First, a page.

What Happens to the Funds in a Special Needs Trust When the Beneficiary Dies?
A Special Needs Trust is a specialized legal tool that allows a beneficiary with disabilities to utilize property or money held in the trust for his or her benefit, without jeopardizing the ability to access essential needs-based public benefits such as Supplemental Security Income (SSI) and Medicaid.
Special care is often taken by parents or loved ones of those who have disabilities to set up a Special Needs Trust in such a way that the disabled individual will have enough resources to last for life. Yet there are times when the beneficiary of a Special Needs Trust passes away before all of the resources within the trust are used up. In such cases, it will be necessary for the trustee to deal with any remaining assets.
Will the Assets Need to Go Back to the Government?
Whether or not remaining assets in a Special Needs Trust must go back to the government to reimburse for Medicaid benefits that were used depends on the type of trust that was created.
In the case of a “third party” Special Needs Trust, the trust is funded with assets that do not belong to the person with special needs. They instead come from parents, grandparents or other loved ones who either contribute inheritances to the trust or set aside money for their loved one’s future care. If such a trust is indeed created correctly, the funds in the trust will not count as the beneficiary’s assets when applying for benefits such as SSI or Medicaid. As such, when the beneficiary dies, this trust will not need to contain a “payback provision” which requires any remaining funds to be paid back to the government.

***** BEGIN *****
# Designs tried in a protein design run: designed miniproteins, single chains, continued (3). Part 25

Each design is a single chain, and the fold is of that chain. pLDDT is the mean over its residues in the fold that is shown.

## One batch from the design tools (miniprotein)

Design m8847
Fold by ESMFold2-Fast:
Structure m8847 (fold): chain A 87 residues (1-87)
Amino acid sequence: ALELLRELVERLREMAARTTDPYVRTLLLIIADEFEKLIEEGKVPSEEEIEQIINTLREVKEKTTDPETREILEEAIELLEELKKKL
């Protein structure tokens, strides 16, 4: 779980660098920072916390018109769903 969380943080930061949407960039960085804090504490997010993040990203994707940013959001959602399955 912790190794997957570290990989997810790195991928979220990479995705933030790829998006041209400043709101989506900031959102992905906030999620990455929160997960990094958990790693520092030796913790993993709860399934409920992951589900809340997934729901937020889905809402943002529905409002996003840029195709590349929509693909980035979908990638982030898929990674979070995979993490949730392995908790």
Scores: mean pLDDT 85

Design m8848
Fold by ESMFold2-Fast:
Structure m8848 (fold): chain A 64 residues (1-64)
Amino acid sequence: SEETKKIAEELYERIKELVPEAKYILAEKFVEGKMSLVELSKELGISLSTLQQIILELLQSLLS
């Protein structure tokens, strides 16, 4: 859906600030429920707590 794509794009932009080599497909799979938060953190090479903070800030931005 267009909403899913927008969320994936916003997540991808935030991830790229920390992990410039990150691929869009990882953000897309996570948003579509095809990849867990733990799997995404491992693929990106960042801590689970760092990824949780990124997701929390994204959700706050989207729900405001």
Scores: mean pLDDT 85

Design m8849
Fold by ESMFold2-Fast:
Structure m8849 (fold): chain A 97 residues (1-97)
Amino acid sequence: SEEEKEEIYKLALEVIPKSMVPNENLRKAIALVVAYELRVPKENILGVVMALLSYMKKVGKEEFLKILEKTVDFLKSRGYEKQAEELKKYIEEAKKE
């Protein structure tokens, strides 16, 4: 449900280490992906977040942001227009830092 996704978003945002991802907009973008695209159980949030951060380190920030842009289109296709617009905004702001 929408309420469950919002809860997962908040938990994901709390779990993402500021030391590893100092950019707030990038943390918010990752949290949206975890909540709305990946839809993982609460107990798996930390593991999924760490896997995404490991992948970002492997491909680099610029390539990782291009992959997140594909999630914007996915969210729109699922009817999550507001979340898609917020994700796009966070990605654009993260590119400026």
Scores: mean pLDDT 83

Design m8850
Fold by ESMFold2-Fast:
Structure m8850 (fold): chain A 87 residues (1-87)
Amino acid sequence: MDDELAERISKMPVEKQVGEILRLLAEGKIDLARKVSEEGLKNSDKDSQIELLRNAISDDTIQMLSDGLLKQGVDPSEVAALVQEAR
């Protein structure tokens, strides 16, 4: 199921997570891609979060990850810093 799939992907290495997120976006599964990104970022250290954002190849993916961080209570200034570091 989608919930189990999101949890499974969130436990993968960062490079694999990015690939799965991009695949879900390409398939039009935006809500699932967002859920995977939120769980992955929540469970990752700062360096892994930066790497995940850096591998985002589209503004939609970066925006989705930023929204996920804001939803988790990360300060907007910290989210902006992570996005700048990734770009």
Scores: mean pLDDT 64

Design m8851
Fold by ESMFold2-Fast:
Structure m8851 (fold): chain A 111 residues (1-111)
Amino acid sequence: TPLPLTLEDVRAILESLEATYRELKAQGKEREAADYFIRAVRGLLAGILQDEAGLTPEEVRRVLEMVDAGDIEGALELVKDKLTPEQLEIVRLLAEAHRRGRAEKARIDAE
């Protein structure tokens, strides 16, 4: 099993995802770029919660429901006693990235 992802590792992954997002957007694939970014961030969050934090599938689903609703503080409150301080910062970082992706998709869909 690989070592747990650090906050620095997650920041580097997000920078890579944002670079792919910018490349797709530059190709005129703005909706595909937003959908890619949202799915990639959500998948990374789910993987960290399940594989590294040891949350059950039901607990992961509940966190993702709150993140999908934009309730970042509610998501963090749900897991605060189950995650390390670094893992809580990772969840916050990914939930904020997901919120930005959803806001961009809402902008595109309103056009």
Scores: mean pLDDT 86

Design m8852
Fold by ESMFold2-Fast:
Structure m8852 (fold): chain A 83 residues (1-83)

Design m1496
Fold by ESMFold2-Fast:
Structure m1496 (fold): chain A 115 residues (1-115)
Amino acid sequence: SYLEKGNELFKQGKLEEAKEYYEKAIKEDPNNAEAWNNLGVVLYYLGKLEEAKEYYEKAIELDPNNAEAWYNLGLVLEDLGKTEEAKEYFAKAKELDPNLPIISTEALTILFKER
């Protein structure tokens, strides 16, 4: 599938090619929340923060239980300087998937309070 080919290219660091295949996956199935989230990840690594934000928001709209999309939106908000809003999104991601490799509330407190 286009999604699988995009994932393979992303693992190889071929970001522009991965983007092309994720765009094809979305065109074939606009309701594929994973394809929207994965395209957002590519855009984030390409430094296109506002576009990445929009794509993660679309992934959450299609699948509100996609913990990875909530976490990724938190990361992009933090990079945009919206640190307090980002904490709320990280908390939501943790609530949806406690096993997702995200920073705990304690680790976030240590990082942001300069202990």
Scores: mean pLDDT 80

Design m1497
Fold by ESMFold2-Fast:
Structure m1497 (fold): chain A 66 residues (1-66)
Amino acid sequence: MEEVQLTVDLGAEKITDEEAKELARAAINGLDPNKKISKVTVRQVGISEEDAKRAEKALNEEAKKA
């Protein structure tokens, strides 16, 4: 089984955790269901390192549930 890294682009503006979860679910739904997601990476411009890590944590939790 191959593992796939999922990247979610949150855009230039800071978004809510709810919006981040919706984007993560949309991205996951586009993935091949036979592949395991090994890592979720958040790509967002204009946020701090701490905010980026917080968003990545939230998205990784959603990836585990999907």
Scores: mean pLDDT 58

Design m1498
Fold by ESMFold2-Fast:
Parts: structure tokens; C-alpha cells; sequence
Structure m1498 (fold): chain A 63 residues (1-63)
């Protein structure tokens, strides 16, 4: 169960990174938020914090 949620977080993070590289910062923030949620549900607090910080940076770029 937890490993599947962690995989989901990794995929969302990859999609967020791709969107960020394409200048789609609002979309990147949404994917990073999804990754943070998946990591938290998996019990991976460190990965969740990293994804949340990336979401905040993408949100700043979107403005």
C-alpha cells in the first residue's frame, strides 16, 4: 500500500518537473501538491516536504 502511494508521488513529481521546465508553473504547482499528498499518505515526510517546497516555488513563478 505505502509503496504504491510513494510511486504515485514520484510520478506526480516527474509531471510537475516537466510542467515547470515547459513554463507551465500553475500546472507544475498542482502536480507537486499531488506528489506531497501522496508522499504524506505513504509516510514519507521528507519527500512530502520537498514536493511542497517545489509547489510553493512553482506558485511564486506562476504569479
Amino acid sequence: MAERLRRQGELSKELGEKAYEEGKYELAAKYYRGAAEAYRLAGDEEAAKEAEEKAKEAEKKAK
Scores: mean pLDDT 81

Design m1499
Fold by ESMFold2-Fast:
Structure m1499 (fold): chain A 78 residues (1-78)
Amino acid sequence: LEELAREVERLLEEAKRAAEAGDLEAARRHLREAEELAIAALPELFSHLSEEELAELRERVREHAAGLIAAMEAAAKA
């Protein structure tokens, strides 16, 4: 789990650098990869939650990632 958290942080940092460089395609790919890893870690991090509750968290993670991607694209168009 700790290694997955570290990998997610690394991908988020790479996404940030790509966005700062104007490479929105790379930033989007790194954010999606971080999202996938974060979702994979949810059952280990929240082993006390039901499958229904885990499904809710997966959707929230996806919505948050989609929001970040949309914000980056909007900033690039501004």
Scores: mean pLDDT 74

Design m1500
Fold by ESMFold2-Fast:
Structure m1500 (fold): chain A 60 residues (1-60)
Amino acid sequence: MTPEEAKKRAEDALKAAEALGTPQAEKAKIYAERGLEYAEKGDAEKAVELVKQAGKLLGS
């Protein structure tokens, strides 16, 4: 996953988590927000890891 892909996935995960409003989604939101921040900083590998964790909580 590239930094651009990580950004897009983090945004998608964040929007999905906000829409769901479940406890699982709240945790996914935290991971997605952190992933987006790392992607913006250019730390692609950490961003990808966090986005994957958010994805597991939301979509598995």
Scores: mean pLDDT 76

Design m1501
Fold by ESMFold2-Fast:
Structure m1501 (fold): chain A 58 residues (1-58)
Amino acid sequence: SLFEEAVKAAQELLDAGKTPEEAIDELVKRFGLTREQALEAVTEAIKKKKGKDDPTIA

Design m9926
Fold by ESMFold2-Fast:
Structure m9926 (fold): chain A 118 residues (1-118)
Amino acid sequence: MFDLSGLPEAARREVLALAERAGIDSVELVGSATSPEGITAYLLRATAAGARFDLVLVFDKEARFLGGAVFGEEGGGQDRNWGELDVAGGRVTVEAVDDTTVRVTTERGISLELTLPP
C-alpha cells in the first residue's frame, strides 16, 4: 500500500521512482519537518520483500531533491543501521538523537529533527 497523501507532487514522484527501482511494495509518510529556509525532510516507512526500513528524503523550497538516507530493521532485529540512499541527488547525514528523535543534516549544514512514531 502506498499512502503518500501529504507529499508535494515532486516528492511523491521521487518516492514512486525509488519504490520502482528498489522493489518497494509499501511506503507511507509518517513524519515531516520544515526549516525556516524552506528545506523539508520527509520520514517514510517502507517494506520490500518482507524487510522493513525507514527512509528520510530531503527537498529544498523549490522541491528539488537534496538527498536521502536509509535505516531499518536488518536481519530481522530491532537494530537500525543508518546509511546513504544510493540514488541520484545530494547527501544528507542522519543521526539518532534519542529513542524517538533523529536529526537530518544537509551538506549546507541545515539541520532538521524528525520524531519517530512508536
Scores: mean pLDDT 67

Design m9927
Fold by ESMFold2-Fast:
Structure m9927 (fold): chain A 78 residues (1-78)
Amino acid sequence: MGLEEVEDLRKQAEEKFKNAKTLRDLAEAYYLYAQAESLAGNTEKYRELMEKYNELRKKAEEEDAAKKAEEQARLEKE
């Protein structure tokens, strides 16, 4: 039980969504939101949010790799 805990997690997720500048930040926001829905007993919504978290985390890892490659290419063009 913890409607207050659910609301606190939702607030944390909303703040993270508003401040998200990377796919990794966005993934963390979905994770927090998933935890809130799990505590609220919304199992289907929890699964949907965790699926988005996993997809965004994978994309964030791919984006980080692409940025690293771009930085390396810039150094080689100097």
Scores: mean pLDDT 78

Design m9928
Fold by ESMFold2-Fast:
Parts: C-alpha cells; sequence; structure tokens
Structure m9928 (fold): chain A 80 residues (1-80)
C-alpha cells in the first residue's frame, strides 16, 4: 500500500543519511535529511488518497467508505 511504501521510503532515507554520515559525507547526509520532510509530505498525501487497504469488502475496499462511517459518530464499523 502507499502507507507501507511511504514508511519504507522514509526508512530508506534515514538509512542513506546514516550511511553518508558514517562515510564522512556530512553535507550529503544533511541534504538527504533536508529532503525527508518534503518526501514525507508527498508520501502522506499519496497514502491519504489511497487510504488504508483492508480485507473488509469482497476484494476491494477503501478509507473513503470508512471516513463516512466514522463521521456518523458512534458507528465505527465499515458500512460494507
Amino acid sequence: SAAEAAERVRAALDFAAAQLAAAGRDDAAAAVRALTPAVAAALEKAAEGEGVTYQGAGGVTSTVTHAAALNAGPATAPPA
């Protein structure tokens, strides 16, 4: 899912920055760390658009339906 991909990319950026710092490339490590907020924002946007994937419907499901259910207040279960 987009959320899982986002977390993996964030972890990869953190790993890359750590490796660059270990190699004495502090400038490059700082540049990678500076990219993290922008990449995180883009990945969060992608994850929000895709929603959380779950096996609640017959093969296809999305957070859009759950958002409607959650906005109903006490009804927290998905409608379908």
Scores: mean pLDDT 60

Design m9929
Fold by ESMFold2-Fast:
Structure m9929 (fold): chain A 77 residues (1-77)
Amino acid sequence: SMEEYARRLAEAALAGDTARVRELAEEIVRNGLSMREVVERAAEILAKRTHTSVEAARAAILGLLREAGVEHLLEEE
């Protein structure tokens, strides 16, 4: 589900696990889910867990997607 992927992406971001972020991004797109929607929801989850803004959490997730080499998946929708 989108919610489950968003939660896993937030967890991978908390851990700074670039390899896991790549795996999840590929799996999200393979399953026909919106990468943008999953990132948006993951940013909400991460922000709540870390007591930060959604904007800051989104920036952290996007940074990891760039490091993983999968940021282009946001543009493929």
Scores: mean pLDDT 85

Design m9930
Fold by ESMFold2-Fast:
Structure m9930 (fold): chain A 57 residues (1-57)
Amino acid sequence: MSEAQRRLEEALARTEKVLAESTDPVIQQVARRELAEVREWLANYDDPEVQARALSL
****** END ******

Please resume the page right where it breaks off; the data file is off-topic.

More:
On the other hand, if the person with special needs places his or her own money into the Special Needs Trust, (for example money that was received as part of a legal settlement)this would require the creation of a “first-party” Special Needs Trust (because the assets are contributed by the person with special needs) and will need to contain a payback provision to the government to reimburse for Medicaid benefits that were used.
What happens to remaining assets in a Third Party Special Needs Trust?
Remaining assets that do not have to be paid back to the government in a Third Party Special Needs Trust will go to residual beneficiaries. Residual beneficiaries may include surviving siblings, caregivers or even a charitable cause. Generally, the person who creates the Special Needs Trust will decide when the trust is created who should inherit any remaining funds that are in the trust following the death of the beneficiary.
Keep in mind that the final distribution amount will not be determined until the Trustee pays any liens, taxes, final expenses, outstanding bills owed and administrative costs.
If you are in Northern Virginia and have questions about creating a either a Third Party Special Needs Trust or a First Party Special Needs Trust , we invite you to contact the Law Office of Sheri R. Abrams at (571) 328-5795 to schedule an appointment.